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Ethical end-of-life palliative care: response to Riisfeldt


In a recent article,1 Riisfeldt attempts to show that the principle of double effect (PDE) is unsound as an ethical principle and problematic in its application to palliative opioid and sedative use in end-of-life care. Specifically, he claims that (1) routine, non-lethal opioid and sedative administration may be “intrinsically bad” by PDE’s standards, (2) continuous deep palliative sedation (or “terminal sedation”) should be treated as a bad effect akin to death for purposes of PDE, (3) PDE cannot coherently be applied in cases where death “indirectly” furthers an agent’s intended end of pain relief via medically appropriate palliative care, and (4) application of PDE requires sacrificing common beliefs about the sanctity of human life. I respond by showing that Riisfeldt’s understanding of PDE is seriously mistaken: he misattributes Kantian and Millian reasoning to the principle and conflates acts’ intrinsic properties with their effects. Further, a corrected understanding of PDE can address Riisfeldt’s case-specific objections.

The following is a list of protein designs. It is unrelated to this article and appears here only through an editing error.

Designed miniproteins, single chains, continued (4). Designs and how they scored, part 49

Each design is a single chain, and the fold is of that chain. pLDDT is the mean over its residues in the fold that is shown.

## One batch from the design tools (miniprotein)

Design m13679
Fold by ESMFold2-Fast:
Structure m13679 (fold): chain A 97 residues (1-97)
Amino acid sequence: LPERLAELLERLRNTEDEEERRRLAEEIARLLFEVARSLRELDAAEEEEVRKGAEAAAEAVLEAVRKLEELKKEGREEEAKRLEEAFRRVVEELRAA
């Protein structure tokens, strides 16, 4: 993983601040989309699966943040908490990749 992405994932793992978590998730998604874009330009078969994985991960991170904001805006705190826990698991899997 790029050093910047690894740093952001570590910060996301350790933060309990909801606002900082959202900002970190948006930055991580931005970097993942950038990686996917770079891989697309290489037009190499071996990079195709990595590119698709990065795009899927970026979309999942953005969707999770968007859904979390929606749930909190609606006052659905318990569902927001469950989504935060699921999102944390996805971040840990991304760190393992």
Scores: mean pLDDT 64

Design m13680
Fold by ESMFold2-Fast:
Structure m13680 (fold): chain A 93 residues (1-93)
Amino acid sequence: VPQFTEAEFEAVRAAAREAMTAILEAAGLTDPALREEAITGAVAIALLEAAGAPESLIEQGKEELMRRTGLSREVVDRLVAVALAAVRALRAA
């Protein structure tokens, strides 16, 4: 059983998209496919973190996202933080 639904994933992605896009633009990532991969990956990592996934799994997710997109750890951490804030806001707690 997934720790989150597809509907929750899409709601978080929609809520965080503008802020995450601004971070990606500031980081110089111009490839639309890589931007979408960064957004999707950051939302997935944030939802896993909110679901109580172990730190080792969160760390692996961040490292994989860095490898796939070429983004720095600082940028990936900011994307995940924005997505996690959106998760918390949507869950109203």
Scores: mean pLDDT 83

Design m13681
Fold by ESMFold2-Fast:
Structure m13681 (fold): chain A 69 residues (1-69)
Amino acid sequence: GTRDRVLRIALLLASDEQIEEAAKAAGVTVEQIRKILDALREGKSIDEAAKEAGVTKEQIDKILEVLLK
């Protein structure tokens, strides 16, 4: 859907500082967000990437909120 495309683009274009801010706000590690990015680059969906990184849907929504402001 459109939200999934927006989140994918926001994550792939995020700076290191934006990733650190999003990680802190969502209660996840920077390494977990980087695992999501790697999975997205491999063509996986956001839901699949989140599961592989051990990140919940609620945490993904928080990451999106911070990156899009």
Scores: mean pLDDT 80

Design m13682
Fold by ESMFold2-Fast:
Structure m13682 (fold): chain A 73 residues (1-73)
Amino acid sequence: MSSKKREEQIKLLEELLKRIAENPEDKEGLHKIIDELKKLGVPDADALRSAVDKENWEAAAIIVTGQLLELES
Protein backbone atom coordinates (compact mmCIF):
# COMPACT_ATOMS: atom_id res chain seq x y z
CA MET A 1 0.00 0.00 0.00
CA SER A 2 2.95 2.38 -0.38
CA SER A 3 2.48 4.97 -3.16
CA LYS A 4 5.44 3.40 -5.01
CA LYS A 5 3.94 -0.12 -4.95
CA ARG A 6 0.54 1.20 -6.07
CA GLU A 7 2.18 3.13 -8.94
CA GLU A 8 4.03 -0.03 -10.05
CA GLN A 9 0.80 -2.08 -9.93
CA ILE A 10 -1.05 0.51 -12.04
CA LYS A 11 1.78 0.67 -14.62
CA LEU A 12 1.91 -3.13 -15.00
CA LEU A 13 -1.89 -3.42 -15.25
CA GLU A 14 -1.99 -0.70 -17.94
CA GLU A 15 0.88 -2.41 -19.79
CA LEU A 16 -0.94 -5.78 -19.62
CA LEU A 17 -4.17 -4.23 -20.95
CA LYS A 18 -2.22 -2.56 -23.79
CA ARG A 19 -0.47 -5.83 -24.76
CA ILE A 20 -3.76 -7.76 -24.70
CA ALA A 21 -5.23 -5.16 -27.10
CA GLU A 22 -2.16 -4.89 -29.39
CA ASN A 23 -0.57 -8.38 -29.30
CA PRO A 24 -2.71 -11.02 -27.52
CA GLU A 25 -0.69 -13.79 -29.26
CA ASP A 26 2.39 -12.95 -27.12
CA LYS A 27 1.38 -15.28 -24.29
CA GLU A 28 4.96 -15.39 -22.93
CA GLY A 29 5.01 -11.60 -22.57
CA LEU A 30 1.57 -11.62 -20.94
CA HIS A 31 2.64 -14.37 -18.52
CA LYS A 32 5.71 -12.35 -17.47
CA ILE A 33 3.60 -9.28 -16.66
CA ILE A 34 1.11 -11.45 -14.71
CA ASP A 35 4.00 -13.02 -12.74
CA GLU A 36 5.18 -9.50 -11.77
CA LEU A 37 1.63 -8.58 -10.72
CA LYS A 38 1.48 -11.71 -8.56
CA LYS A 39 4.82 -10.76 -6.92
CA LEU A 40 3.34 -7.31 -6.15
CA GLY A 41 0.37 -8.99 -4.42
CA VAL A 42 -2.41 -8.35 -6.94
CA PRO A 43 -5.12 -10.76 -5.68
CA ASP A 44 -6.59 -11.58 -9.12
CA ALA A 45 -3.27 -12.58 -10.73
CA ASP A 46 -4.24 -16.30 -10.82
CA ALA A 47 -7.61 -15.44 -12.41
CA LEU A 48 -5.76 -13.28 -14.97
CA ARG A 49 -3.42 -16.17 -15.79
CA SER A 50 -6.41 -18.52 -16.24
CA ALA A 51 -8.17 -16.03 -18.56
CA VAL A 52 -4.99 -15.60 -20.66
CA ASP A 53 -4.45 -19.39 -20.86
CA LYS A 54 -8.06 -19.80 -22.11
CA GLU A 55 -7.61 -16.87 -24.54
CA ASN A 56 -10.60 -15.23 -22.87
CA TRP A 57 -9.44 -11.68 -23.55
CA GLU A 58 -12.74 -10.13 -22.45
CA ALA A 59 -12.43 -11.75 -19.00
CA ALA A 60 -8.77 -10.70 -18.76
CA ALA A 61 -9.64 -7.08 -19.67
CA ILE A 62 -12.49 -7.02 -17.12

• Euthanasia
  • ethics
  • palliative care

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